PR is important, but it’s even more important that it’s done correctly. When your press release doesn’t include these five key elements you won’t get that key editor to take notice of your company, and your public relations’ efforts will fail. The next time you’re called on to produce a press release, keep these five things in mind.
Is There Industry Interest?
Like it or not, a press release needs to interest an editor in the first paragraph or it won’t make the cut. It’s the same advice given to job applicants about their resume attracting the attention of time-crunched human resources managers.
Editors often see 50 or more press releases each day. That means you have only a couple of minutes to make an impression and pique their interest in your story. And your story needs to be important and of interest to your industry – it can’t be simply a marketing message or company celebration. (You may want to read my prior post about what makes an editor take notice of your story.)
How Strong Is Your Headline & Lede?
Every good press release starts with a strong headline. In many cases there is also a subhead that provides a bit more information. These two key items are followed by a compelling opening lead paragraph. That means clear, concise language without errors – and a message that gets right to the point.
For instance, if your company is launching a new product – with a breakthrough technology that has significant performance advantages over other competing technologies – the editors should know that by the time they have read the first sentence of your press release. It’s even better if they know this from just reading the headline and subheading.
Yes, it does seem elementary, but you’d be surprised how many press releases “bury the lede” – the main reason for the story. Instead of getting right to the point, they begin with a rose-colored recap of the 20 years of innovation at the company, followed by a pointless quote from the CEO about how proud they are of their storied history.
Editors won’t spend time searching for a story in your press release. Spending time on what amounts to fluff from the beginning is a sure-fire way to prevent an editor from learning about your big news.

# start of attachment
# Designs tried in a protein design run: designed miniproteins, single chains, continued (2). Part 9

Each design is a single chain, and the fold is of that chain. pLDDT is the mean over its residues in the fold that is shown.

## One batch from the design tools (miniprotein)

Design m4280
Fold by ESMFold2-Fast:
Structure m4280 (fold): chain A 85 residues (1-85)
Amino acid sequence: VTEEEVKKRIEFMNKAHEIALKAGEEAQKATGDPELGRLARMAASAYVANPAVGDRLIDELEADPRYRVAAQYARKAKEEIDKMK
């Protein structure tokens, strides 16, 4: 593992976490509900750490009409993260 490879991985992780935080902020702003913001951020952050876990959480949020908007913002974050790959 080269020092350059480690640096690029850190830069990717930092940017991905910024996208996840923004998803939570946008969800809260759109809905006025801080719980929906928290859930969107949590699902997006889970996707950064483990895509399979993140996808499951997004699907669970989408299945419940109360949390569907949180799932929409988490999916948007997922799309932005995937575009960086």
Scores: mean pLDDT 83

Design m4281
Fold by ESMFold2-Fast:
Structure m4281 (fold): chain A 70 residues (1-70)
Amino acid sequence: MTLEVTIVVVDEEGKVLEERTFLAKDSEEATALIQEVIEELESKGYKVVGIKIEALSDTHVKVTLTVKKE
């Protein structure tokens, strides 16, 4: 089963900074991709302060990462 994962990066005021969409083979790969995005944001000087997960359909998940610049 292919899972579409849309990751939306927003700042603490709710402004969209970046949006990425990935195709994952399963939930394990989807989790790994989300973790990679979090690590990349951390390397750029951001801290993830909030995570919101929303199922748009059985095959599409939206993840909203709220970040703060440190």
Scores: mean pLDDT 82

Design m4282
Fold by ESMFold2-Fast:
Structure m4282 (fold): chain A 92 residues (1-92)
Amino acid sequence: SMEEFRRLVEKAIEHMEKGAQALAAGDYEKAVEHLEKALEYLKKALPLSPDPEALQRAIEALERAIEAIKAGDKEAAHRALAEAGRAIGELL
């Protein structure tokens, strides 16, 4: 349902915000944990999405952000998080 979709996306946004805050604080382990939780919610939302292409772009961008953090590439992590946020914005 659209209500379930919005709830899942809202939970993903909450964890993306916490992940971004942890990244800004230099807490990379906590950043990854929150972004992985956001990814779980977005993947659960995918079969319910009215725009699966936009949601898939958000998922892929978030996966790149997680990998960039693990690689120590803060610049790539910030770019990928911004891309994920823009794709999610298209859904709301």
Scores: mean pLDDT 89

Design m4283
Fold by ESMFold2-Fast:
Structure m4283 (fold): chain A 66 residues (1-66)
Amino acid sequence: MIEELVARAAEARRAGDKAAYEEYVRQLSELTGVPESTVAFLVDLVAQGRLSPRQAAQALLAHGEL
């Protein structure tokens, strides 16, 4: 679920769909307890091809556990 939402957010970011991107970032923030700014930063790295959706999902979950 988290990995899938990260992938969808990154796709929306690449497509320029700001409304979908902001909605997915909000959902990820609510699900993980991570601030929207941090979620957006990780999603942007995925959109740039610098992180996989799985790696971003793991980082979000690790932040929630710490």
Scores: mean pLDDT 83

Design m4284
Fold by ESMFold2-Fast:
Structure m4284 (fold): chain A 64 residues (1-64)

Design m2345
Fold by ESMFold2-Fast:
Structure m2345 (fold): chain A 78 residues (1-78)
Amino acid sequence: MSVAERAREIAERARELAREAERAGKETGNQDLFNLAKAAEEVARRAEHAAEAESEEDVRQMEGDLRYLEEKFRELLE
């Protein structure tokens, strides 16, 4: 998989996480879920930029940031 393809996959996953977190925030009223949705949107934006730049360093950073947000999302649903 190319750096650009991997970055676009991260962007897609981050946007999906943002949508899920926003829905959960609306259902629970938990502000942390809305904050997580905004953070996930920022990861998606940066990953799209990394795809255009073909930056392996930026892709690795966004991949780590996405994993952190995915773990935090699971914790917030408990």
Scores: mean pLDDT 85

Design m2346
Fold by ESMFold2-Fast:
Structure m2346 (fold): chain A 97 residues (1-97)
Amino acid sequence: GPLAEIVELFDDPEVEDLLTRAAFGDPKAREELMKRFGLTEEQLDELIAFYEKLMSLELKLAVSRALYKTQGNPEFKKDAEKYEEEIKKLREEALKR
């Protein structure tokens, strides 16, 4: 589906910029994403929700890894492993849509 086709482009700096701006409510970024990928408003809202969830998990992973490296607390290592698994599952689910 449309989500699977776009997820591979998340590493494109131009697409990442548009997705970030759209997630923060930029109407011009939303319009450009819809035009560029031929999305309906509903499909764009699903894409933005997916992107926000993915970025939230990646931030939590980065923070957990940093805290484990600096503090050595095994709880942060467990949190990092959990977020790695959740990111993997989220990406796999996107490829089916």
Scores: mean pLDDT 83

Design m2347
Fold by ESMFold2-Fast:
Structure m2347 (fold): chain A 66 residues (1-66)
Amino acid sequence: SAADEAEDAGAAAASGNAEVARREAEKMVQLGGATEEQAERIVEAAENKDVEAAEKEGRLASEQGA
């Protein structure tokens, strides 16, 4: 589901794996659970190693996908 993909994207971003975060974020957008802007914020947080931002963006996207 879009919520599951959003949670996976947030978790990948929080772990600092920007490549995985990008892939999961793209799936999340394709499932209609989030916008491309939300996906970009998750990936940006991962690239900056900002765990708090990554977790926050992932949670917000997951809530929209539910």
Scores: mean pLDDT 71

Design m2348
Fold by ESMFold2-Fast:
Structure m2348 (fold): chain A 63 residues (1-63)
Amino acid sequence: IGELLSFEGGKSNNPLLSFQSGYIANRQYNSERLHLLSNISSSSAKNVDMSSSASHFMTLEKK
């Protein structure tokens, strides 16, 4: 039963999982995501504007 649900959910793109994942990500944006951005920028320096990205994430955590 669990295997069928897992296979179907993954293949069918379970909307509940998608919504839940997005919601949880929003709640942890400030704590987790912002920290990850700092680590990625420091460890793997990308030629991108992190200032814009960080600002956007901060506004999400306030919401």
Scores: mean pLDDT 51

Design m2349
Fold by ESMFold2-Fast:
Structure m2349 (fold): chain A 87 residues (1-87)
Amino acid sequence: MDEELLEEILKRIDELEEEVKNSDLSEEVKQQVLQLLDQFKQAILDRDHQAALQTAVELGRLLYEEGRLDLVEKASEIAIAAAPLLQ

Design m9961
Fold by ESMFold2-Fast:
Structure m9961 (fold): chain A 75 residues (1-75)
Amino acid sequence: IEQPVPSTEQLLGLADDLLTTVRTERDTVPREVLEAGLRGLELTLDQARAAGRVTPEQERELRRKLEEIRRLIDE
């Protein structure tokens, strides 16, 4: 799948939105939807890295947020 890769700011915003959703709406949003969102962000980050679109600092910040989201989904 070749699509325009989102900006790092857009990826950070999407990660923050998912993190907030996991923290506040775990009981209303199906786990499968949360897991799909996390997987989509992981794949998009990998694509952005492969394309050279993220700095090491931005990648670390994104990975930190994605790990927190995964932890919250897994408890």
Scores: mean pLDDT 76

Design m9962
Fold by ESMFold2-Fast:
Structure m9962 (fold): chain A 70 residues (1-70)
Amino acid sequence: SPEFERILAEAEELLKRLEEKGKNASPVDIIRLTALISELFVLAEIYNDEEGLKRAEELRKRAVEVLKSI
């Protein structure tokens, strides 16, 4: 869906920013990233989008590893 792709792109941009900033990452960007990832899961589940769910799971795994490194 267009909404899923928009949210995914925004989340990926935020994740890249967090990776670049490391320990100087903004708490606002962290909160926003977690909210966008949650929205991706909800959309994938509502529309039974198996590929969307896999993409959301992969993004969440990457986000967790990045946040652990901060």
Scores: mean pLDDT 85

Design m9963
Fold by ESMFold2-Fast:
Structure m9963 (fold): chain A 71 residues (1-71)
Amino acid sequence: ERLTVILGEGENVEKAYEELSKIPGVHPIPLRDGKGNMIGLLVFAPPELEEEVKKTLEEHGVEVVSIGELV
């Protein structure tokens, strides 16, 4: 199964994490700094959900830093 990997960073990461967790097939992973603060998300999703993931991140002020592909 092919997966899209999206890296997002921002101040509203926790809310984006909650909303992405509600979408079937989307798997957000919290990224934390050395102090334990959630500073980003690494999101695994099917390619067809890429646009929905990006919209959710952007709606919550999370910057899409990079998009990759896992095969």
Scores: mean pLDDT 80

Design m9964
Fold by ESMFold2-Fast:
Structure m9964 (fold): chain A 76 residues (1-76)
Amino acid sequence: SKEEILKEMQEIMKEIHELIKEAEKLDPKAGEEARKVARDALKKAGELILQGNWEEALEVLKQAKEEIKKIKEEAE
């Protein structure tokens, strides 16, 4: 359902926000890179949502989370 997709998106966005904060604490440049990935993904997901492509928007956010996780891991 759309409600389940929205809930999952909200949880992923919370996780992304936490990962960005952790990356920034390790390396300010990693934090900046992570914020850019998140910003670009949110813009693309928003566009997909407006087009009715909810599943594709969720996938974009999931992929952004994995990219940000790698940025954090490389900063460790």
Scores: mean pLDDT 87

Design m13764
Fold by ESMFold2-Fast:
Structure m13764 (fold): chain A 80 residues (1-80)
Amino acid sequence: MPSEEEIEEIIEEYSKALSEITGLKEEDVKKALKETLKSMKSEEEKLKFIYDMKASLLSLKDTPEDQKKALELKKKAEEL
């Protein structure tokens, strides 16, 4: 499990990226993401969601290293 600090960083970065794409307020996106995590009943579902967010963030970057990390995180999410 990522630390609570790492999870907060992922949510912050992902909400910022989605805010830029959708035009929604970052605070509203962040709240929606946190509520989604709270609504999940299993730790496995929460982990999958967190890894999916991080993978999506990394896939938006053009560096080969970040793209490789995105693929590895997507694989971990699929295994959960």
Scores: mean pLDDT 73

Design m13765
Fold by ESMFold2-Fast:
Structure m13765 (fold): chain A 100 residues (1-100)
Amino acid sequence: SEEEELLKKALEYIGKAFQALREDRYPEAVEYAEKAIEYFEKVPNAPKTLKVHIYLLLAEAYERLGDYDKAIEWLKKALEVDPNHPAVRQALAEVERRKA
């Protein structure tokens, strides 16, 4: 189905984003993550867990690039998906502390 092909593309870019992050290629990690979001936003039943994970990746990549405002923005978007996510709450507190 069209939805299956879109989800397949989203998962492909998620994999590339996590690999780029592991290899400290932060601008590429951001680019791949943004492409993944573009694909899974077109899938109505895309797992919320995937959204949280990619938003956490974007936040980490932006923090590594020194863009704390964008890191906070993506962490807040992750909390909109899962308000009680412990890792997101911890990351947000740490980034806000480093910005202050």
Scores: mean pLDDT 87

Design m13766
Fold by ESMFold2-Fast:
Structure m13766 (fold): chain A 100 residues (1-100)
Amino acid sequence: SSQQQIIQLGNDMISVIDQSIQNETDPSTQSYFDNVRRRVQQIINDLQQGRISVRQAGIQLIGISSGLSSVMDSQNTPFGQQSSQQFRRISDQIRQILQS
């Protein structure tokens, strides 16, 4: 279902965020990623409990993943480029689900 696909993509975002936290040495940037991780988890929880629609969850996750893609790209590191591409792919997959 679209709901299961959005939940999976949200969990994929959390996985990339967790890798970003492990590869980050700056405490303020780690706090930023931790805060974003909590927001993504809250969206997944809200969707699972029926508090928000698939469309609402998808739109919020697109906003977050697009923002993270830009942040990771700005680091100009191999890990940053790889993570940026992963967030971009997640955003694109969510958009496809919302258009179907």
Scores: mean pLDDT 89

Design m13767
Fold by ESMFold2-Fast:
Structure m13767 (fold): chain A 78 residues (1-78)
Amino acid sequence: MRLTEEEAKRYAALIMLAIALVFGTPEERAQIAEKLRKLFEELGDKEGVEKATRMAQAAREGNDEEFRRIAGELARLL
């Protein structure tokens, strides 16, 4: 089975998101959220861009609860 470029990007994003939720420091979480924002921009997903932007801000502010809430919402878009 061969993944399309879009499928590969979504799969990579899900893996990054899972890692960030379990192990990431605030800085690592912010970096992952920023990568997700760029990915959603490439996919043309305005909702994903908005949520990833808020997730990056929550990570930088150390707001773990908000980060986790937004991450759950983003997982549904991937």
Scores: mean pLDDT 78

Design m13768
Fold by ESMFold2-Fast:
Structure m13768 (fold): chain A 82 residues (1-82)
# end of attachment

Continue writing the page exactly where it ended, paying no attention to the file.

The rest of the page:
Good Writing Counts
If your press release gets straight to the point, that’s a good first step. But you need to make sure the release itself is well written and devoid of grammatical and spelling errors. Like it or not, the people you are presenting your story to write and edit similar content every day. Most have very high standards when it comes to the written word, so be sure you don’t distract them from your story with poor writing and typos.
While you might make the first cut by putting the important stuff first, your news still needs to compete with other press releases to make the final cut. Make sure the writing throughout is clear, factual and devoid of careless little mistakes. Details matter to editors. They want to know when they call to request an interview that details matter to you, as well. Industry editors want to know you will get them the information they need for their story.
Help the Editor Serve Their Readership
To interest an editor in your story, it’s vital you understand what good editors consider the most important part of their job – serving their readers. In the trade publishing world, good editors are keenly attuned to their readers.
Editors know exactly who their readers are and what their jobs are. They talk to readers regularly to get feedback and to better understand their business challenges. Using this information, editors select which stories to cover based on how interested their readers will be in the topic, and whether it affects them in ways that may have an impact on their job or business.
As an editor for more than 20 years, I’ve often fielded calls from companies who have sent me a press release and acted like it was my job to serve them. The implication was that the best way for me to do that would be to publish whatever information they happen to send me. While it is true you can find so-called news outlets out there who will publish anything (often for a price), the best coverage you can get for your company’s news is in the pages of publications that people in your industry read regularly. Trade publication information is presented clearly, objectively and is of real importance to the industry.
Getting the Editorial Green Light
Trade and industry publications and their editors should be your prize. Peppering their inboxes with trivial press releases or poorly-written press releases that don’t get to the point quickly almost always ensures they will eventually treat all your press releases like email spam. Delete!
However, if you consistently provide industry editors with good, solid press releases that are well-written – even if only a few times each year – you will gain their trust and significantly increase your chances of getting regular coverage for your company.